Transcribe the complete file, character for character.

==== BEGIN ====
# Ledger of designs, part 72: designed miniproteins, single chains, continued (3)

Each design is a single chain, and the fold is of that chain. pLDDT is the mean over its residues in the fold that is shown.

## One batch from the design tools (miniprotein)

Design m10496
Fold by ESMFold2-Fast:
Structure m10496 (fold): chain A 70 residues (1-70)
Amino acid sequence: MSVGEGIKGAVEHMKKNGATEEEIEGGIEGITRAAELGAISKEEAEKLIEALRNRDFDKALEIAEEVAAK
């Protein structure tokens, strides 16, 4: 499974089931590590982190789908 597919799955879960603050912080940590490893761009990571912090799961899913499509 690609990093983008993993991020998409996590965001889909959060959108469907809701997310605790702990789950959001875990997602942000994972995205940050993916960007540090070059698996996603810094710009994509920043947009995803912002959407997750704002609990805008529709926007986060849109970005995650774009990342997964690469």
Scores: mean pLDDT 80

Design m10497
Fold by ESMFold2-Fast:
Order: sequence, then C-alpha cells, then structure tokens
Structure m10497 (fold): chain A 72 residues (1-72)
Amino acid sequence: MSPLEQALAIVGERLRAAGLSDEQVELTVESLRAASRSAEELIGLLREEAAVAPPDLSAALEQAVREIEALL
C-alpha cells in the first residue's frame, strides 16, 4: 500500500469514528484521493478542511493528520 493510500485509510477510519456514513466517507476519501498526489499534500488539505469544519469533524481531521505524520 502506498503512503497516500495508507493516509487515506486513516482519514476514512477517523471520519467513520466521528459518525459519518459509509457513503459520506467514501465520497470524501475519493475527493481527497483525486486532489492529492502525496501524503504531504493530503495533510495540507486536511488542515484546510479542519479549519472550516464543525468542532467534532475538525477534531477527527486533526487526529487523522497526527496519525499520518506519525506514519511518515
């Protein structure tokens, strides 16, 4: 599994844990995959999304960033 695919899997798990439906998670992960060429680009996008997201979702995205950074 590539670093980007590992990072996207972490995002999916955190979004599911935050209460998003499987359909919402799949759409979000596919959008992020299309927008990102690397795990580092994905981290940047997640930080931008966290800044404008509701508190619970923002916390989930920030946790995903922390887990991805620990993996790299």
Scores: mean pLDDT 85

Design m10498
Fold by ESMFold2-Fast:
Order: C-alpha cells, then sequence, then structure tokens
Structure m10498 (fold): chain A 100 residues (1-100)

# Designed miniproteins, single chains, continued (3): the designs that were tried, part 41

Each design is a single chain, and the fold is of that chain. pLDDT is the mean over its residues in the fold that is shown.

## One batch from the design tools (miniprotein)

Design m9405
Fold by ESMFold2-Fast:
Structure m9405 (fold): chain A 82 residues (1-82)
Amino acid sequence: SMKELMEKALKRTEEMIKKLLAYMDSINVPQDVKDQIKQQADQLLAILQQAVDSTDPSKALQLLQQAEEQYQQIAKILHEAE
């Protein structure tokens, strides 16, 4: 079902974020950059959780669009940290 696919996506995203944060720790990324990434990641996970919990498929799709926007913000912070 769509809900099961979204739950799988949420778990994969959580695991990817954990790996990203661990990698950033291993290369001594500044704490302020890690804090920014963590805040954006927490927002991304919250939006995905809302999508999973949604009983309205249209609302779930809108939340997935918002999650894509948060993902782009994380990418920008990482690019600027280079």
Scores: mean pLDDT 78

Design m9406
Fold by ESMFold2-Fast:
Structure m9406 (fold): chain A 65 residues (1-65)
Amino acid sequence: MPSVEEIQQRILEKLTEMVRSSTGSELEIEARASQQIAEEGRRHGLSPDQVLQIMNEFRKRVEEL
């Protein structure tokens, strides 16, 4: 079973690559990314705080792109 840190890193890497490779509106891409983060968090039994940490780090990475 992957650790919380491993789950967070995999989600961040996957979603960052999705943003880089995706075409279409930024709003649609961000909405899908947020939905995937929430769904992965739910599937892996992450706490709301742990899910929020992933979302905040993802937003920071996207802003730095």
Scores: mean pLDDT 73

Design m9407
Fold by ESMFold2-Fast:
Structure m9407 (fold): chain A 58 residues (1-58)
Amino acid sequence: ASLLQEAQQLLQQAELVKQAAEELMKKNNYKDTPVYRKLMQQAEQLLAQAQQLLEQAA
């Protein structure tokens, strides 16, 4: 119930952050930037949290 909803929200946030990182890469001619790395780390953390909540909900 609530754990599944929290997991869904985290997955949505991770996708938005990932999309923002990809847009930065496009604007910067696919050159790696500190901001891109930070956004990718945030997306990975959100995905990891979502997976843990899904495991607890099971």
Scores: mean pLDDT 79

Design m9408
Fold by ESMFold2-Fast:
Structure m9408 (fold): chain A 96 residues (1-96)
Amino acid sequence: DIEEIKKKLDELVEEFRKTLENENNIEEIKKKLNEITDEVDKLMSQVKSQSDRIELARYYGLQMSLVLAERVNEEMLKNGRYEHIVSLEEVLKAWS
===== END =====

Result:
# Ledger of designs, part 72: designed miniproteins, single chains, continued (3)

Each design is a single chain, and the fold is of that chain. pLDDT is the mean over its residues in the fold that is shown.

## One batch from the design tools (miniprotein)

Design m10496
Fold by ESMFold2-Fast:
Structure m10496 (fold): chain A 70 residues (1-70)
Amino acid sequence: MSVGEGIKGAVEHMKKNGATEEEIEGGIEGITRAAELGAISKEEAEKLIEALRNRDFDKALEIAEEVAAK
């Protein structure tokens, strides 16, 4: 499974089931590590982190789908 597919799955879960603050912080940590490893761009990571912090799961899913499509 690609990093983008993993991020998409996590965001889909959060959108469907809701997310605790702990789950959001875990997602942000994972995205940050993916960007540090070059698996996603810094710009994509920043947009995803912002959407997750704002609990805008529709926007986060849109970005995650774009990342997964690469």
Scores: mean pLDDT 80

Design m10497
Fold by ESMFold2-Fast:
Order: sequence, then C-alpha cells, then structure tokens
Structure m10497 (fold): chain A 72 residues (1-72)
Amino acid sequence: MSPLEQALAIVGERLRAAGLSDEQVELTVESLRAASRSAEELIGLLREEAAVAPPDLSAALEQAVREIEALL
C-alpha cells in the first residue's frame, strides 16, 4: 500500500469514528484521493478542511493528520 493510500485509510477510519456514513466517507476519501498526489499534500488539505469544519469533524481531521505524520 502506498503512503497516500495508507493516509487515506486513516482519514476514512477517523471520519467513520466521528459518525459519518459509509457513503459520506467514501465520497470524501475519493475527493481527497483525486486532489492529492502525496501524503504531504493530503495533510495540507486536511488542515484546510479542519479549519472550516464543525468542532467534532475538525477534531477527527486533526487526529487523522497526527496519525499520518506519525506514519511518515
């Protein structure tokens, strides 16, 4: 599994844990995959999304960033 695919899997798990439906998670992960060429680009996008997201979702995205950074 590539670093980007590992990072996207972490995002999916955190979004599911935050209460998003499987359909919402799949759409979000596919959008992020299309927008990102690397795990580092994905981290940047997640930080931008966290800044404008509701508190619970923002916390989930920030946790995903922390887990991805620990993996790299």
Scores: mean pLDDT 85

Design m10498
Fold by ESMFold2-Fast:
Order: C-alpha cells, then sequence, then structure tokens
Structure m10498 (fold): chain A 100 residues (1-100)

# Designed miniproteins, single chains, continued (3): the designs that were tried, part 41

Each design is a single chain, and the fold is of that chain. pLDDT is the mean over its residues in the fold that is shown.

## One batch from the design tools (miniprotein)

Design m9405
Fold by ESMFold2-Fast:
Structure m9405 (fold): chain A 82 residues (1-82)
Amino acid sequence: SMKELMEKALKRTEEMIKKLLAYMDSINVPQDVKDQIKQQADQLLAILQQAVDSTDPSKALQLLQQAEEQYQQIAKILHEAE
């Protein structure tokens, strides 16, 4: 079902974020950059959780669009940290 696919996506995203944060720790990324990434990641996970919990498929799709926007913000912070 769509809900099961979204739950799988949420778990994969959580695991990817954990790996990203661990990698950033291993290369001594500044704490302020890690804090920014963590805040954006927490927002991304919250939006995905809302999508999973949604009983309205249209609302779930809108939340997935918002999650894509948060993902782009994380990418920008990482690019600027280079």
Scores: mean pLDDT 78

Design m9406
Fold by ESMFold2-Fast:
Structure m9406 (fold): chain A 65 residues (1-65)
Amino acid sequence: MPSVEEIQQRILEKLTEMVRSSTGSELEIEARASQQIAEEGRRHGLSPDQVLQIMNEFRKRVEEL
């Protein structure tokens, strides 16, 4: 079973690559990314705080792109 840190890193890497490779509106891409983060968090039994940490780090990475 992957650790919380491993789950967070995999989600961040996957979603960052999705943003880089995706075409279409930024709003649609961000909405899908947020939905995937929430769904992965739910599937892996992450706490709301742990899910929020992933979302905040993802937003920071996207802003730095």
Scores: mean pLDDT 73

Design m9407
Fold by ESMFold2-Fast:
Structure m9407 (fold): chain A 58 residues (1-58)
Amino acid sequence: ASLLQEAQQLLQQAELVKQAAEELMKKNNYKDTPVYRKLMQQAEQLLAQAQQLLEQAA
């Protein structure tokens, strides 16, 4: 119930952050930037949290 909803929200946030990182890469001619790395780390953390909540909900 609530754990599944929290997991869904985290997955949505991770996708938005990932999309923002990809847009930065496009604007910067696919050159790696500190901001891109930070956004990718945030997306990975959100995905990891979502997976843990899904495991607890099971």
Scores: mean pLDDT 79

Design m9408
Fold by ESMFold2-Fast:
Structure m9408 (fold): chain A 96 residues (1-96)
Amino acid sequence: DIEEIKKKLDELVEEFRKTLENENNIEEIKKKLNEITDEVDKLMSQVKSQSDRIELARYYGLQMSLVLAERVNEEMLKNGRYEHIVSLEEVLKAWS